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Sunflowers are perhaps one of the most well-known edible flowers. The edible seeds from the Common Sunflower are well known and commercially available.
However, you may not know that another member of the sunflower family, the Prairie Sunflower (Helianthus petiolaris), is also widely spread across North America and just as edible. This beautiful plant species can be freely foraged in many areas as it is considered by some to be a weed.
Identifying Prairie Sunflower
Prairie sunflower is a taprooted annual, blooming between June and September. The flowers are hermaphrodites, containing both male and female parts, and closely resemble those of the Common Sunflower. The flowers are 1 ½ to 3 inches across, with 12 to 25 yellow petals. The center disk is brown and about an inch in diameter, fruiting into a head of ¼ inch brown seeds.
Prairie sunflower grows up to 4 feet tall, and the stems are erect and hairy. The leaves grow alternately and have somewhat wavy edges, though the shape is somewhat variable. Leaves are rough in texture and bluish green in color, with a length of 2 to 5 inches.
Where to Find and Forage
Prairie Sunflowers grow commonly in sandy areas and thrive well in heavy clay soil and dry prairies. Like most other members of the sunflower family, they cannot grow in shady areas. They require direct sunlight to thrive.
Prairie Sunflower started as a native to the Western United States. From Minnesota and down into Texas, and all the way west to California. Distribution has expanded though into the Eastern United States as well, and even up into Central and Western Canada. It is now the most widely distributed species of sunflower, second only to the Common Sunflower.
On top of being widely distributed and available, Prairie Sunflowers are exceptionally useful. Virtually all parts of the plant are edible or otherwise useful once foraged, and you can make culinary use of them at all stages of life.
The sprouts of the sunflowers can be harvested when they’re about 6 inches tall, and are a fantastic microgreen full of vitamins and antioxidants. Try them in a salad, sandwich, or toss them into a stir-fry.
Petals and Leaves
The petals and leaves of the Prairie Sunflower can be used as greens in salads. The petals are known to have a bittersweet taste, and aren’t appetizing on their own in large quantity. Mix them into salads for color or to balance out sweeter flavors in your dishes.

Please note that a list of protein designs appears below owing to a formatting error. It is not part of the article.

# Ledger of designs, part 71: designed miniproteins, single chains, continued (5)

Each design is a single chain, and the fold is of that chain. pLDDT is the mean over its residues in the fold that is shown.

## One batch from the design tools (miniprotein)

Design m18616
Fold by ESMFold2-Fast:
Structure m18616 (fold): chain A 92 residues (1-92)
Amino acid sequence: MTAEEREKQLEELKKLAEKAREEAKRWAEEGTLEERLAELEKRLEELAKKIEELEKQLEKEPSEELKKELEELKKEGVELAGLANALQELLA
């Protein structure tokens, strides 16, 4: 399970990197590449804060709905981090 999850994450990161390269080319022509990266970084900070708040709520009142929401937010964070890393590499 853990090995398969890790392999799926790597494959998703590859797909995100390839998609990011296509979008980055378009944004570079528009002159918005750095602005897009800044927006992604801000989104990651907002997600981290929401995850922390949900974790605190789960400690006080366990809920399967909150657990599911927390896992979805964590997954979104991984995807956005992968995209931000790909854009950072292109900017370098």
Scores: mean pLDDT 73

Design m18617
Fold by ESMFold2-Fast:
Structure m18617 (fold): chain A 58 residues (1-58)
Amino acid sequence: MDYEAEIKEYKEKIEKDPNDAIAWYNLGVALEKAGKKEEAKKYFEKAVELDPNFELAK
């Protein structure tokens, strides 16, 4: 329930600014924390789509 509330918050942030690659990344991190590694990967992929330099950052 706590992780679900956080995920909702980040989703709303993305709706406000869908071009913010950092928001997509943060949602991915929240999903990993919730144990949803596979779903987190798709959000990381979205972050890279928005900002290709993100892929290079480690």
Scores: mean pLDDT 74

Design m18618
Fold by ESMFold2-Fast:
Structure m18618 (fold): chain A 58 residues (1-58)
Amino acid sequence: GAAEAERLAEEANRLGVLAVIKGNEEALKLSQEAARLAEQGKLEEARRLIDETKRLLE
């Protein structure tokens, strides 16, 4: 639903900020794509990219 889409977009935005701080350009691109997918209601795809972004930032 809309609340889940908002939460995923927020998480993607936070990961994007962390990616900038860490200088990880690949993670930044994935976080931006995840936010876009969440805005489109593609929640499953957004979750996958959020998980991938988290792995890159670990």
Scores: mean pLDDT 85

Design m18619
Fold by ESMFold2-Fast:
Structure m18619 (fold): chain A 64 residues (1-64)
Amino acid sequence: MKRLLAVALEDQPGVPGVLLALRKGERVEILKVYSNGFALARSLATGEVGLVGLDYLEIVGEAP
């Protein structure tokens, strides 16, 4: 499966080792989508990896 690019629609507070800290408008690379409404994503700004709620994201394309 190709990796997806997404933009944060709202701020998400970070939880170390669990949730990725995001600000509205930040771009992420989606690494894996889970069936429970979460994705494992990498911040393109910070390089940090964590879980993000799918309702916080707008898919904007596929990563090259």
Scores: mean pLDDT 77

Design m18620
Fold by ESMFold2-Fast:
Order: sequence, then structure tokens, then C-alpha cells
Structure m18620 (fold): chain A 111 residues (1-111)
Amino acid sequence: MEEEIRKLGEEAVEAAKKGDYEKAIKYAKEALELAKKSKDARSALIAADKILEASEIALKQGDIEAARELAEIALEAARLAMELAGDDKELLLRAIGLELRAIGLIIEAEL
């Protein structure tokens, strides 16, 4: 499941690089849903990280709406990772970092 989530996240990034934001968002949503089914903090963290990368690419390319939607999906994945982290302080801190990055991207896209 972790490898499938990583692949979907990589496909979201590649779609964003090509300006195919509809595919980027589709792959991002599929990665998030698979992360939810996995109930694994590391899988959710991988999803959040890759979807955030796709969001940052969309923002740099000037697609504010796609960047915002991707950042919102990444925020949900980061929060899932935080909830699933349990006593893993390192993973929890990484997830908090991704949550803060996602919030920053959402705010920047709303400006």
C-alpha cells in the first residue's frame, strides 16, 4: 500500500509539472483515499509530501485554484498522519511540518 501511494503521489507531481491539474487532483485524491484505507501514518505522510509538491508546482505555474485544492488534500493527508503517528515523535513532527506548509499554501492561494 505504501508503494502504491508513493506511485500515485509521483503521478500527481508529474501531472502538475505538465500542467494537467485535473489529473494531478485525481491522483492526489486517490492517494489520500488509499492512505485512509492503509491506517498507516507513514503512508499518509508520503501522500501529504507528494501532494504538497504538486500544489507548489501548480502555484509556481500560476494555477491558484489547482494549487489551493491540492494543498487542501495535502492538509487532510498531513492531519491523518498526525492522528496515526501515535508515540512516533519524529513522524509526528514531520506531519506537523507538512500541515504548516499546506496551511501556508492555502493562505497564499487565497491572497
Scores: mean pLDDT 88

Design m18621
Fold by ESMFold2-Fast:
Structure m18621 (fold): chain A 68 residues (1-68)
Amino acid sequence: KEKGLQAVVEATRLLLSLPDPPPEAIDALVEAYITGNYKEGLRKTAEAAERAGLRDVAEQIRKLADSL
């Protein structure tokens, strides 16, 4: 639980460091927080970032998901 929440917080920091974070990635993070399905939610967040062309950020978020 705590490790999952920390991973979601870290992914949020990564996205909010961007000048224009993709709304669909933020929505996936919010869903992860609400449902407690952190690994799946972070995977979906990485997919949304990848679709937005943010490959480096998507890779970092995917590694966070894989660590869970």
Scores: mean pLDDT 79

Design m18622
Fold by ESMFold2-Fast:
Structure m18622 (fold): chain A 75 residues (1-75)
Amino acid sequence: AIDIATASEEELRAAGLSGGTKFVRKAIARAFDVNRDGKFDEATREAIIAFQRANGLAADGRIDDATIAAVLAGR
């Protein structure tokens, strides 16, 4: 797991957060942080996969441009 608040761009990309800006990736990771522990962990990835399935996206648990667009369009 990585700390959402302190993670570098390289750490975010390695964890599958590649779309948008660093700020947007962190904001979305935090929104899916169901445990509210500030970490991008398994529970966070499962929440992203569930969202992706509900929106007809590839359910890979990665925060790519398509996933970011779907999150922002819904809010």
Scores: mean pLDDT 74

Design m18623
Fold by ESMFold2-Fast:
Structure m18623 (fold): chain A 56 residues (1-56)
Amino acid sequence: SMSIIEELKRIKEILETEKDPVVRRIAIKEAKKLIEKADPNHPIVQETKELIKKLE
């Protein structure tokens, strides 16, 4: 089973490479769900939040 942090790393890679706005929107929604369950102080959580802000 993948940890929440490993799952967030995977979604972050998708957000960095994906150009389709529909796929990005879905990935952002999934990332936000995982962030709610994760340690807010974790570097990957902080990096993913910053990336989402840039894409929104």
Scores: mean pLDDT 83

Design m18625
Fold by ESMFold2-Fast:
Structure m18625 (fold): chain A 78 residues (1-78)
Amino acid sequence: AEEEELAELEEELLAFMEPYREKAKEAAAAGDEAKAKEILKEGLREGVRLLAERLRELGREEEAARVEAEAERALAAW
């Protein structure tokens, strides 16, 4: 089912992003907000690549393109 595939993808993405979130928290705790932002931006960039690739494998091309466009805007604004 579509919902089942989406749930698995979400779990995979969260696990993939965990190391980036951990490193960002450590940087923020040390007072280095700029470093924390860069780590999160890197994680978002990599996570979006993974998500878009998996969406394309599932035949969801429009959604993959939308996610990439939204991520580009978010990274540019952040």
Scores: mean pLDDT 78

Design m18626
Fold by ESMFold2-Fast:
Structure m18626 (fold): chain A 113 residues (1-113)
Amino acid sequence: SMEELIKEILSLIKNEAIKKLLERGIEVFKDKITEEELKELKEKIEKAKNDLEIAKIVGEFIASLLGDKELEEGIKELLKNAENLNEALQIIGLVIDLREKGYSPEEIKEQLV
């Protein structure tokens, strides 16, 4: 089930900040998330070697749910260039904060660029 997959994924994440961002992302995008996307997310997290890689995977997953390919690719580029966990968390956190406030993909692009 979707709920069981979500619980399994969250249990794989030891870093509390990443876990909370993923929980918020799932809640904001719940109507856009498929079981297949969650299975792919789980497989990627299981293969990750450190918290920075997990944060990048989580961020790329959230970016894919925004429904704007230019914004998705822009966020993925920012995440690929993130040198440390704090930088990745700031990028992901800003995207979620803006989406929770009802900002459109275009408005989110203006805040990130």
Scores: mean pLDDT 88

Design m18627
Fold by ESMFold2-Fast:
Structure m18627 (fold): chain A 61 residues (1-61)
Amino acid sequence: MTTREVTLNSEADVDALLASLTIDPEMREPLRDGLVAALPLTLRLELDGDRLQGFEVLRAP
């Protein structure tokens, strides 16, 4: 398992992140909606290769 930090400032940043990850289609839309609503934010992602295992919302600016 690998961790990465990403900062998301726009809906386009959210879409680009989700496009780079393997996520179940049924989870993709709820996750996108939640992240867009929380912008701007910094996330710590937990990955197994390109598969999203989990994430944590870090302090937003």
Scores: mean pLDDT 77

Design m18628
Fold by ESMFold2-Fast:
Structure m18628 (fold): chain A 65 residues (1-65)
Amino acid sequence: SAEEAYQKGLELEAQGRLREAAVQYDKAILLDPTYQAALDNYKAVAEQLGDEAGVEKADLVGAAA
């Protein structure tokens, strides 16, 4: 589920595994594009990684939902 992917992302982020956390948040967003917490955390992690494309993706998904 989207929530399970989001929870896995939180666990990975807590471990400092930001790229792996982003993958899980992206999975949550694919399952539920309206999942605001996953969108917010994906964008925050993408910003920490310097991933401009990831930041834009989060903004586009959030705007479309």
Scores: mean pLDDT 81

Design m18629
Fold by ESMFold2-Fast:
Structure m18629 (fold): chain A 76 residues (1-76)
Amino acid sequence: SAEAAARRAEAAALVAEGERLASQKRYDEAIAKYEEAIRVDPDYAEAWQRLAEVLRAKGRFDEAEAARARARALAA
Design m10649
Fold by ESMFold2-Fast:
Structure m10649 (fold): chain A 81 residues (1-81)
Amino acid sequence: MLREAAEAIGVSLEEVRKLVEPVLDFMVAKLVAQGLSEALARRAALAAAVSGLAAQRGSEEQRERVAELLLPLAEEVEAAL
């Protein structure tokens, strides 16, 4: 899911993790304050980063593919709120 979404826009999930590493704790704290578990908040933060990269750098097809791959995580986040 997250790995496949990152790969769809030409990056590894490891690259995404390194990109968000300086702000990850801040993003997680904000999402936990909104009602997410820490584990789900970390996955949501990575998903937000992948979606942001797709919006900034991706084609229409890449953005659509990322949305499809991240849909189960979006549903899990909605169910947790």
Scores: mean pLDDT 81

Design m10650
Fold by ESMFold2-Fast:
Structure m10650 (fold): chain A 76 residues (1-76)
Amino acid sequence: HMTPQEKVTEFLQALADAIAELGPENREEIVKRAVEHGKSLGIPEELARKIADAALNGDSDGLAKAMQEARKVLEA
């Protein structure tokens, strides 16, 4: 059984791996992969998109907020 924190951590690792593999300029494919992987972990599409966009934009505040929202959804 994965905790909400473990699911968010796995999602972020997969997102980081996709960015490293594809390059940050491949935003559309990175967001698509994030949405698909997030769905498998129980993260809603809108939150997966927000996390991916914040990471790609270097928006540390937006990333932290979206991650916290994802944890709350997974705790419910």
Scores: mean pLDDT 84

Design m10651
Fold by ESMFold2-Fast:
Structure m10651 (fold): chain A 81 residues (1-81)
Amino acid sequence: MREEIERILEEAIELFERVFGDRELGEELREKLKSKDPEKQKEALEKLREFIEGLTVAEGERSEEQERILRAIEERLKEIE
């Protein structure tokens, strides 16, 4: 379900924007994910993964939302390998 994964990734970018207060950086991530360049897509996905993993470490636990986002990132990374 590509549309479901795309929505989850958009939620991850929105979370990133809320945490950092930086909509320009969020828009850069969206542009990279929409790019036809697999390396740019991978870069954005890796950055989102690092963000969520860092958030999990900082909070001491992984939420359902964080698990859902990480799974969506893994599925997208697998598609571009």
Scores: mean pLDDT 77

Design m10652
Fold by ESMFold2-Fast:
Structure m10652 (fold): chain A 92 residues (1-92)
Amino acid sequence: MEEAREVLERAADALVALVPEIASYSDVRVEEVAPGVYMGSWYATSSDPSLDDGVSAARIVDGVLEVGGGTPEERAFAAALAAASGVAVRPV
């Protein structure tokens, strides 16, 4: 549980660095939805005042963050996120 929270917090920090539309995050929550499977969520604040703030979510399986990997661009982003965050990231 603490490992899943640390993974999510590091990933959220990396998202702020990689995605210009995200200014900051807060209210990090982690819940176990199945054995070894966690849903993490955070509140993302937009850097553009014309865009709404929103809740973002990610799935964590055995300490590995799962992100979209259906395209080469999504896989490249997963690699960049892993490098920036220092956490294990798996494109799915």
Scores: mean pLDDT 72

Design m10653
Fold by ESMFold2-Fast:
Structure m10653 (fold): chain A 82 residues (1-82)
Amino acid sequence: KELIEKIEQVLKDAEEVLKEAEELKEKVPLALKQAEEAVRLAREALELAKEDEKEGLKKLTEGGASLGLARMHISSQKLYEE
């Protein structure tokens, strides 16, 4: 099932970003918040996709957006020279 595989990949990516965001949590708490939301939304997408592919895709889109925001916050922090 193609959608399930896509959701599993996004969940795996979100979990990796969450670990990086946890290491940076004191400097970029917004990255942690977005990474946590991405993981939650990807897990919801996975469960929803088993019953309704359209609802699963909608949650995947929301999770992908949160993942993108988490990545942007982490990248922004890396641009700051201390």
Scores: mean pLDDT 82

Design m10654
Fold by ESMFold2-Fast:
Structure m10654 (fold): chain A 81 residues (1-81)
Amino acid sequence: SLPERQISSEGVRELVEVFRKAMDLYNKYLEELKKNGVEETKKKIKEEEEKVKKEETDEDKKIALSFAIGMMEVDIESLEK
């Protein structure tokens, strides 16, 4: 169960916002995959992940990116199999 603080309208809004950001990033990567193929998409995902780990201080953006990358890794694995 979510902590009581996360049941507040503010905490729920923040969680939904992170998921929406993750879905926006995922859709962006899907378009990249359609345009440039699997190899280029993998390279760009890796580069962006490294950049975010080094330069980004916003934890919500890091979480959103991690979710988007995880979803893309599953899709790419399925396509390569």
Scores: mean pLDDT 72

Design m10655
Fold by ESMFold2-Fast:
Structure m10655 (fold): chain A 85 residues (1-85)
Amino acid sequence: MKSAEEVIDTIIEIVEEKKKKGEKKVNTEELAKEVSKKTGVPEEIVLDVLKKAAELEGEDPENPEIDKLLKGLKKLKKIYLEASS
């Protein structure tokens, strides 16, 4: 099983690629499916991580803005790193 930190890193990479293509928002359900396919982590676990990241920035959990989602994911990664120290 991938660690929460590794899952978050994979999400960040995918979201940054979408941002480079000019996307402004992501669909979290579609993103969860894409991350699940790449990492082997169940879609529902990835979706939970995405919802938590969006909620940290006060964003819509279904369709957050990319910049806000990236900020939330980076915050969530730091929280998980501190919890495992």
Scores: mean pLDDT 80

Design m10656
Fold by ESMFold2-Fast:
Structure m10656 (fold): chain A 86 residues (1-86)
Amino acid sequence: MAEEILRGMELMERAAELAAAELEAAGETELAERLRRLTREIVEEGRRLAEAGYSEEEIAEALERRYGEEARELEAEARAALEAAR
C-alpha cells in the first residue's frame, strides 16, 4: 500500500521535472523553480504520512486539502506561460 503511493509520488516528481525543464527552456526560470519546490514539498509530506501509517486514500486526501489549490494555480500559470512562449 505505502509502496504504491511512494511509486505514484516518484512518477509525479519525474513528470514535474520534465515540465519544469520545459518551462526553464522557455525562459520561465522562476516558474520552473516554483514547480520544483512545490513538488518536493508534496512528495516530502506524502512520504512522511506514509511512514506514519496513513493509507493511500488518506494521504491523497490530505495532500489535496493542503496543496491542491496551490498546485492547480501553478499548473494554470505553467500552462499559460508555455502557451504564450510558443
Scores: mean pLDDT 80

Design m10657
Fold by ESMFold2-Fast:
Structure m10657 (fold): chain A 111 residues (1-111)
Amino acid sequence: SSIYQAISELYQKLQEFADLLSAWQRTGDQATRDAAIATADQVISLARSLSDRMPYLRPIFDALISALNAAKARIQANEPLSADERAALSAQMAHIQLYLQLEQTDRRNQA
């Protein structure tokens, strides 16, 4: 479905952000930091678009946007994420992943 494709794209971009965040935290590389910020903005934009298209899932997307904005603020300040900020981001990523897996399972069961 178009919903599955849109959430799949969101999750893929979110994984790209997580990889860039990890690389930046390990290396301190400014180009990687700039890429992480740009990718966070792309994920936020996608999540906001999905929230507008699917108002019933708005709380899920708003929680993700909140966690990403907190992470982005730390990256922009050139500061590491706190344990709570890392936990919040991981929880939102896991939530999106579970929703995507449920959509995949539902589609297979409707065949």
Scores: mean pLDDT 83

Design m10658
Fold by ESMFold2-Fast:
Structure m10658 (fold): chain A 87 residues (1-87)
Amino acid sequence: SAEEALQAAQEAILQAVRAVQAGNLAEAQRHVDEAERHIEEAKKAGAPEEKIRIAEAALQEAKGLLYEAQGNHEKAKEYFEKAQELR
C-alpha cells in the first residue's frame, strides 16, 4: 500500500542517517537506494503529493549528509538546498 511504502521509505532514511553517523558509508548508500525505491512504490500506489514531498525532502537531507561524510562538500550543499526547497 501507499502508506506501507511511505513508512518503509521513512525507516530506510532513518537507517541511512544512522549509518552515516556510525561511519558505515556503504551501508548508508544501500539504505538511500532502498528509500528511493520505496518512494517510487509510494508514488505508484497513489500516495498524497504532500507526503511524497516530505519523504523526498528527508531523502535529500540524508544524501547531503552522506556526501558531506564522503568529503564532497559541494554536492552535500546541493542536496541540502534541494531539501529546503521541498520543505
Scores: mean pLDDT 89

The Leaves can be boiled like spinach or baked like kale chips. They can also be steeped to make tea as an herbal supplement. Use caution as the hairs on the leaves may cause irritation in some individuals when consumed.
The whole flower is said to be quite good when harvested young, when green and before they’ve quite opened. These small buds can be boiled and served with butter. Buds are described as having a similar taste to artichokes.
Sunflower Seeds are of course the most known edible part of the sunflower plant. The prairie sunflower is no different, with seeds ready to harvest once the rear disk flowers have turned from green to yellow. They can be eaten raw or cooked. Cooking the seeds involves soaking them overnight in salt water and then roasting at 250 degrees Fahrenheit for several hours. For those willing to take on the effort, the seeds can be ground into powder and kneaded into seed butter.
Stalks and Roots
When it comes to the stalks, the young ones have the most potential. Some sources claim that the peeled stalks of the Prairie sunflower have a similar taste and texture to celery. Cut them into bite sized snacks or toss them into salads for the crunchy texture. Try freshly peeled young stalks with peanut butter or Hummus. Avoid the older plants and stalks, which become woody and inedible.
Finally, the roots can be roasted, fried, steamed or eaten raw. Some people shred the root to create a slaw.
Cautions and Concerns
Some sources claim that the stems and leaves of sunflowers contain toxins which may cause reactions in humans and animals. Although disputed, there may be legitimate reasons for a reaction to occur. One may be that the hairs of the stems and leaves can cause irritation when eaten.
More concerning than that is that Sunflowers are excellent at absorbing toxins from the soil they grow in. In fact, the Farmers Almanac recommends planting sunflowers to absorb lead and other heavy metals such as arsenic and zinc from the soil. After the Hiroshima, Fukushima, and Chernobyl nuclear disasters, fields of sunflowers were planted at these sites to absorb toxic metals and radiation from the soil.
Although this author could find no toxic lookalikes, instead the forager should be cautious of environmental factors. Although Prairie Sunflower can be found readily on roadsides in the summer, harvesting and eating these plants is not recommended.
Be aware of the potential for toxic runoff and chemical buildup in soils near roads, construction sites, and industrial spaces. When in doubt, move along and find a safer space to forage.—————
Written by Taylor Calderon
Taylor Calderon is a freelance graphic designer and writer from South Texas. They have a passion for art, food, and living self-sufficiently. They enjoy writing on a variety of topics and issues, from sustainable living to botanicals and foraging, to travel and culture. To see more of their work, you can view their portfolio at www.flamingink.art
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